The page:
Spin (8/93, p.88) - Highly Recommended - "...this is the pure essence of prog rock, but in the best possible sense--stargazing, not shoegazing..."
Alternative Press (7/93, p.59) - "...vast, cavernous, explosive, reverb-drenched psychedelia that scrambles your senses...ten songs that put the sigh back into psychedelia..."
Melody Maker (1/1/94, p.77) - Ranked #29 in Melody Maker's list of the `Albums Of The Year' for 1993 - "...A STORM IN HEAVEN was the perfect title for the turbulent transendence Verve achieved here...."
Melody Maker (6/19/93, p.33) - "...Heave all that trad-rock back in the cultural dustbin it crawled out of and get into this. It's raining manna. Get wet, kids...."
NME (Magazine) (6/19/93, p.33) - 8 - Excellent - "...some of the prettiest noises to ever escape from amplifiers....At best, you'll believe a man can fly..."
NME (Magazine) (12/25/93, p.67) - Ranked #34 in New Musical Express' list of `The Top 50 LPs Of 1993' - "...Simultaneously freaked and focused, it's so high it gulps for air. Still, it's a great view from up here...."
Personnel: Richard Ashcroft (vocals, guitar, percussion); Nick McCabe (guitar, accordion, keyboards); Simon Clarke, Yvette Lacey (flute); Kick Horns (horns); Simon Jones (bass, background vocals); Peter Salisbury (drums, percussion).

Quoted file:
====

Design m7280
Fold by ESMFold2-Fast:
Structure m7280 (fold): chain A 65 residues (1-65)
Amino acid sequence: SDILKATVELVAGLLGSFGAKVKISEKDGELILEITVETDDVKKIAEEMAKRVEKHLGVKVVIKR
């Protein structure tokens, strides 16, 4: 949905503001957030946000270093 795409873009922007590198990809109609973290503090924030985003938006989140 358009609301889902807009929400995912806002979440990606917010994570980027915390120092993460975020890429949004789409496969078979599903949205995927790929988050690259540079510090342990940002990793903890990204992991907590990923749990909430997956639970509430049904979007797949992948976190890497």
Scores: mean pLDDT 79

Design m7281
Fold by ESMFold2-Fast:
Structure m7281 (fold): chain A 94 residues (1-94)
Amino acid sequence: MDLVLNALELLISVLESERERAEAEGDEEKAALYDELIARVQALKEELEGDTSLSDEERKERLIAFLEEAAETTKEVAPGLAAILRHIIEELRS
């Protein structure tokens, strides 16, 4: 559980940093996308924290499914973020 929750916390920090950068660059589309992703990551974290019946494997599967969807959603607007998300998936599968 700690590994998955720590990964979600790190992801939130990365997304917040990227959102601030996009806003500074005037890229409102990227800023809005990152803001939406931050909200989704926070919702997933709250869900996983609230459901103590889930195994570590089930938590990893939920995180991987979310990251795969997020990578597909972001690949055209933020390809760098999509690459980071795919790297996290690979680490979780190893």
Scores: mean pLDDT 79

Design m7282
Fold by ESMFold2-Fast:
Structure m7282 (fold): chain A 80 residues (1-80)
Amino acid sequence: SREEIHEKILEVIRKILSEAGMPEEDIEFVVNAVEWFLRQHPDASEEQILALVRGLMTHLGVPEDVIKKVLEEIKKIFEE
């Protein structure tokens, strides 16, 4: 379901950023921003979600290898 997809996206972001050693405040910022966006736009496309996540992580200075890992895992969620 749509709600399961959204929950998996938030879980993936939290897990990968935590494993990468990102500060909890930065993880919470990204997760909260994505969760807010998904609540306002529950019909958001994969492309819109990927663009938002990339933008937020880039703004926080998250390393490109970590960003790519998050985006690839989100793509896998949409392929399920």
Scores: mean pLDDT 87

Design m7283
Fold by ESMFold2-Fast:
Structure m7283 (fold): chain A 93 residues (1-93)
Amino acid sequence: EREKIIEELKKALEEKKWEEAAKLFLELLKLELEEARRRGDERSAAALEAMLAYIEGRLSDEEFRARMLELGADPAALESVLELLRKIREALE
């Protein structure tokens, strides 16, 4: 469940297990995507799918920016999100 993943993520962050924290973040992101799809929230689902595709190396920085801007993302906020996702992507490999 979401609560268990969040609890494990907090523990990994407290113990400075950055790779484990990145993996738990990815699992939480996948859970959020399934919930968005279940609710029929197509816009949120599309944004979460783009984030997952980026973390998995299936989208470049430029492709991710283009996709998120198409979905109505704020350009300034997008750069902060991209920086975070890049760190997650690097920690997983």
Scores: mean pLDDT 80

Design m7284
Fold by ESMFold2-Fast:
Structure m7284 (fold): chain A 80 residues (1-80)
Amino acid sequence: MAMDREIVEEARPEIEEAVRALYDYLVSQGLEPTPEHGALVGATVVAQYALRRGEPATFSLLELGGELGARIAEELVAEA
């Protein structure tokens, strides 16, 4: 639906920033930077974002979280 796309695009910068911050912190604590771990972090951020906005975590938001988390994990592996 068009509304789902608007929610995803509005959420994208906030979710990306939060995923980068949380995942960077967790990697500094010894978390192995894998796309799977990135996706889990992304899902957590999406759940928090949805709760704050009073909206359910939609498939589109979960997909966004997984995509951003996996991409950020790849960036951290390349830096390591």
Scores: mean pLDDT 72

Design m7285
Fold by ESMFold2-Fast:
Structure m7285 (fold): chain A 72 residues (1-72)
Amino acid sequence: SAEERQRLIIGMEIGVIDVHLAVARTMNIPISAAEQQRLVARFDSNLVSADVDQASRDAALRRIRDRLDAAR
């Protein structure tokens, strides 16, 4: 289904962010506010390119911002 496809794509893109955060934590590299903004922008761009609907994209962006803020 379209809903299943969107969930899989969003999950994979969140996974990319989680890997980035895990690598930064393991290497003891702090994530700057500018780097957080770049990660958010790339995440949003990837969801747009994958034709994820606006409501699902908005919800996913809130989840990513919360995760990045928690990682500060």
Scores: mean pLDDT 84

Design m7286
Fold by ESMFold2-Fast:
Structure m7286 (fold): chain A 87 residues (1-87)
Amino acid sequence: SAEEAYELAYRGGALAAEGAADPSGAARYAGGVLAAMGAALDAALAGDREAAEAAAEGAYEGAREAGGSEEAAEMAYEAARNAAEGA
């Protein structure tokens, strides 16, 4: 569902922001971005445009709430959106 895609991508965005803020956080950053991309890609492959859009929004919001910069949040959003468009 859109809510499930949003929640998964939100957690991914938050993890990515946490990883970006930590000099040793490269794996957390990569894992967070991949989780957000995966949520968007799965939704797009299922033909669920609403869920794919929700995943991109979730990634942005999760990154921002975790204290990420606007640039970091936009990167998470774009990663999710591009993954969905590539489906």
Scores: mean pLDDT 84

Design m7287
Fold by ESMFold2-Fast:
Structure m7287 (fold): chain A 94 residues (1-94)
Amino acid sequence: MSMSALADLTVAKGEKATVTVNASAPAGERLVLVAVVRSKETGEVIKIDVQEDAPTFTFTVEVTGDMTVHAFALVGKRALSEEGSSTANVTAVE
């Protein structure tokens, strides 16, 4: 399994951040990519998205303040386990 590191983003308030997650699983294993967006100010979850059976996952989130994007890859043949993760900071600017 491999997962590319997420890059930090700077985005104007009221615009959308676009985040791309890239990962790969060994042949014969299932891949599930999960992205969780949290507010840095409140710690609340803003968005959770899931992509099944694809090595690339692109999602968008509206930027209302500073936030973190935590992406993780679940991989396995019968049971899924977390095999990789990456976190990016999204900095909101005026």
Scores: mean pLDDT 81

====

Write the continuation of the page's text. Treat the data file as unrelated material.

Recorded at The Sawmills Studio, Cornwall, England.
The first Verve album, A STORM IN HEAVEN, was released in 1993, prior to some legal wrangling necessitating the addition of the definite article to the band's name. Appearing in the wake of the commercial success of the "shoegazer" trend in England, it successfully bridged the gap between the rock affectations of Ride's spectacular GOING BLANK AGAIN and Spiritualized's debut album, both early shoegazing cornerstones.
Building on the spaciousness of their first few singles, A STORM IN HEAVEN marries the Verve's psychedelic leanings to the sonic whirlwind of Nick McCabe's guitar heroics. Highlights include "The Sun, the Sea," which is peppered with massive, crunching rock sounds, even featuring some hyperactive horns toward the end. "Virtual World," with the addition of flutes to the mix, conjures Jethro Tull caught in an elaborate crystalline guitar sound sculpture. The real winner here, though, is the majestic and enveloping "See You In the Next One (Have a Good Time)," which tones down much of the histrionics that precede it in favor of a dramatic acoustic sound with echoing vocals and McCabe's understated piano.